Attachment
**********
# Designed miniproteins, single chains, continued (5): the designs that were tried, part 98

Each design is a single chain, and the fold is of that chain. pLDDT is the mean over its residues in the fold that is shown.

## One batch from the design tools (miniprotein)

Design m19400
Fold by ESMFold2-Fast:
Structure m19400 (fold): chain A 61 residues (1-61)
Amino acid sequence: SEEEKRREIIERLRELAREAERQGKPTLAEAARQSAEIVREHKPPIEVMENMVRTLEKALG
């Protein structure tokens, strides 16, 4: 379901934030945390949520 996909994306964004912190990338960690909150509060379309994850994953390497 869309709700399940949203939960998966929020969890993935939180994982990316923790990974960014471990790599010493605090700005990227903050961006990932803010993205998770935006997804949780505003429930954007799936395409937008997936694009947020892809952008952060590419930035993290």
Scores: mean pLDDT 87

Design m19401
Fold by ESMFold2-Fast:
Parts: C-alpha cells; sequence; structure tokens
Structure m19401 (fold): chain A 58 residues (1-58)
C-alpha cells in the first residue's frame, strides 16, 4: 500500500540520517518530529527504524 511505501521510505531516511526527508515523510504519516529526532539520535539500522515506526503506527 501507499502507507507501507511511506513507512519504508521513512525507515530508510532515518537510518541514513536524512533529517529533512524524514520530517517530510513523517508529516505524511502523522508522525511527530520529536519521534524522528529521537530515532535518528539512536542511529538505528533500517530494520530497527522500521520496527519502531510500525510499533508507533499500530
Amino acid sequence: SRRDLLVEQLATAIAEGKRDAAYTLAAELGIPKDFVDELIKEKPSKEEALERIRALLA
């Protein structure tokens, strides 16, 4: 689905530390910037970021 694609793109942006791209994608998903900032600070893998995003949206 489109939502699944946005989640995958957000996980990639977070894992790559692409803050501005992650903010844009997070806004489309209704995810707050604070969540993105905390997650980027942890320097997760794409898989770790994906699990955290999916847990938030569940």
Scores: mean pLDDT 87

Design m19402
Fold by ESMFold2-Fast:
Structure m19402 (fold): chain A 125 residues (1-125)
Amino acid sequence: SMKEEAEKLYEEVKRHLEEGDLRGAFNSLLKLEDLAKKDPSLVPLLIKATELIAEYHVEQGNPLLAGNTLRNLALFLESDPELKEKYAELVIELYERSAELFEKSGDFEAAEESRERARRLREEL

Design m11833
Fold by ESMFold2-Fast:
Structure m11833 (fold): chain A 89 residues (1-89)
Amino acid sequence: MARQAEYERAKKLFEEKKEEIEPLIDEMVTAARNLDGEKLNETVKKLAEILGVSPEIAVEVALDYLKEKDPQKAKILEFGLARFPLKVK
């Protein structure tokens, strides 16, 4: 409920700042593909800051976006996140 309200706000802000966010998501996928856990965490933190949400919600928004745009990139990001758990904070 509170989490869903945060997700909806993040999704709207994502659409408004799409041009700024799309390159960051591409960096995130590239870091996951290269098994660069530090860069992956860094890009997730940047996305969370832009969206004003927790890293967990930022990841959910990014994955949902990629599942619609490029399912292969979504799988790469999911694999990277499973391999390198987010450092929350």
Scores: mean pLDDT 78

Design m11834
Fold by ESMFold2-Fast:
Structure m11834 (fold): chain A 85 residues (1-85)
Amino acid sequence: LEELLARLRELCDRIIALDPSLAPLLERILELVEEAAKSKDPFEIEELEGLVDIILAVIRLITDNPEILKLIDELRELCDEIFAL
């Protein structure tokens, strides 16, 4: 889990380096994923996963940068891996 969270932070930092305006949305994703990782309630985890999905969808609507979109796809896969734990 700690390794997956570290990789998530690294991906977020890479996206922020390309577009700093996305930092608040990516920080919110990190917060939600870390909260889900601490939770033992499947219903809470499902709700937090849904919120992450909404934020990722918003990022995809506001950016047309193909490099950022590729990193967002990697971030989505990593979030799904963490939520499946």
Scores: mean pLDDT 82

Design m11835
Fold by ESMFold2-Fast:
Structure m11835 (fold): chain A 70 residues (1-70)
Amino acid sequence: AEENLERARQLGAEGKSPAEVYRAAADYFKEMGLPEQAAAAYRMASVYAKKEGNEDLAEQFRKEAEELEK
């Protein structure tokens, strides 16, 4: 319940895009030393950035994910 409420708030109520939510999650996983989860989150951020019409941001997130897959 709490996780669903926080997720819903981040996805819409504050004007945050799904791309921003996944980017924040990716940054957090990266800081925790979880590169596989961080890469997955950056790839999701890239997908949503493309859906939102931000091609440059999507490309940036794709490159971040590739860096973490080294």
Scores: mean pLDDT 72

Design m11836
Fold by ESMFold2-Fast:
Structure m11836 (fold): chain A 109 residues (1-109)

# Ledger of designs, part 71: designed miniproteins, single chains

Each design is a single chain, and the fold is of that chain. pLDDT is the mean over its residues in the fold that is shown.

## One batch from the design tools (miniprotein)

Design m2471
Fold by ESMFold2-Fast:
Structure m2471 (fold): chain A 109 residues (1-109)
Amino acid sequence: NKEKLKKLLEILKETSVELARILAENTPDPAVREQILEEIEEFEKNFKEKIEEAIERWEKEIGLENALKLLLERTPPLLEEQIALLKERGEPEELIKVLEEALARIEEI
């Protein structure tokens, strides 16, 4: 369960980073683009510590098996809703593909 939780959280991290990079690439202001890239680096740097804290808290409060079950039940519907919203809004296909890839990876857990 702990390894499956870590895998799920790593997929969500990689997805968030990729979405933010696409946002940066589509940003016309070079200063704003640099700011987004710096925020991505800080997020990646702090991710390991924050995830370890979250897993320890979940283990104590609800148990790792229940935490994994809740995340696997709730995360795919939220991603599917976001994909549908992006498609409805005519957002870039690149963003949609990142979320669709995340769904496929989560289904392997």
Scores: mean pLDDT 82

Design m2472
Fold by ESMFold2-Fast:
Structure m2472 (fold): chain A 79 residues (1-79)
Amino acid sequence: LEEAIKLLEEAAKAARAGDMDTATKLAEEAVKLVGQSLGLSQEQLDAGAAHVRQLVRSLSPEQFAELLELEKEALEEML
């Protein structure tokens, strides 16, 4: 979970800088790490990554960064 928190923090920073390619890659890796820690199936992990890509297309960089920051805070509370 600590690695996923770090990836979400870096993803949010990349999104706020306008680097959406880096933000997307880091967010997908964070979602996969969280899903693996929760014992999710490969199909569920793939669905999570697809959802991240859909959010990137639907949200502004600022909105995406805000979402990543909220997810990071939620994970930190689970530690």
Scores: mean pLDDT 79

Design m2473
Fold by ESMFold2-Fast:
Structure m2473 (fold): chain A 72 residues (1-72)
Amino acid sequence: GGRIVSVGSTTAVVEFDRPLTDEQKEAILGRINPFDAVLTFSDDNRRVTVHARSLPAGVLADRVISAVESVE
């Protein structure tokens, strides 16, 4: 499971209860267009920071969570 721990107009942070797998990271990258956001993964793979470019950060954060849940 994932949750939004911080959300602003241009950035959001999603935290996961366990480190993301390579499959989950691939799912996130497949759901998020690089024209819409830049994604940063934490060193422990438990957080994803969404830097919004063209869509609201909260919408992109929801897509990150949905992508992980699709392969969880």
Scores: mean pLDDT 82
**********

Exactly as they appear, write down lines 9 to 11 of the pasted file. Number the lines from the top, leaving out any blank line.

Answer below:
Scores: mean pLDDT 87

Design m19401
Fold by ESMFold2-Fast: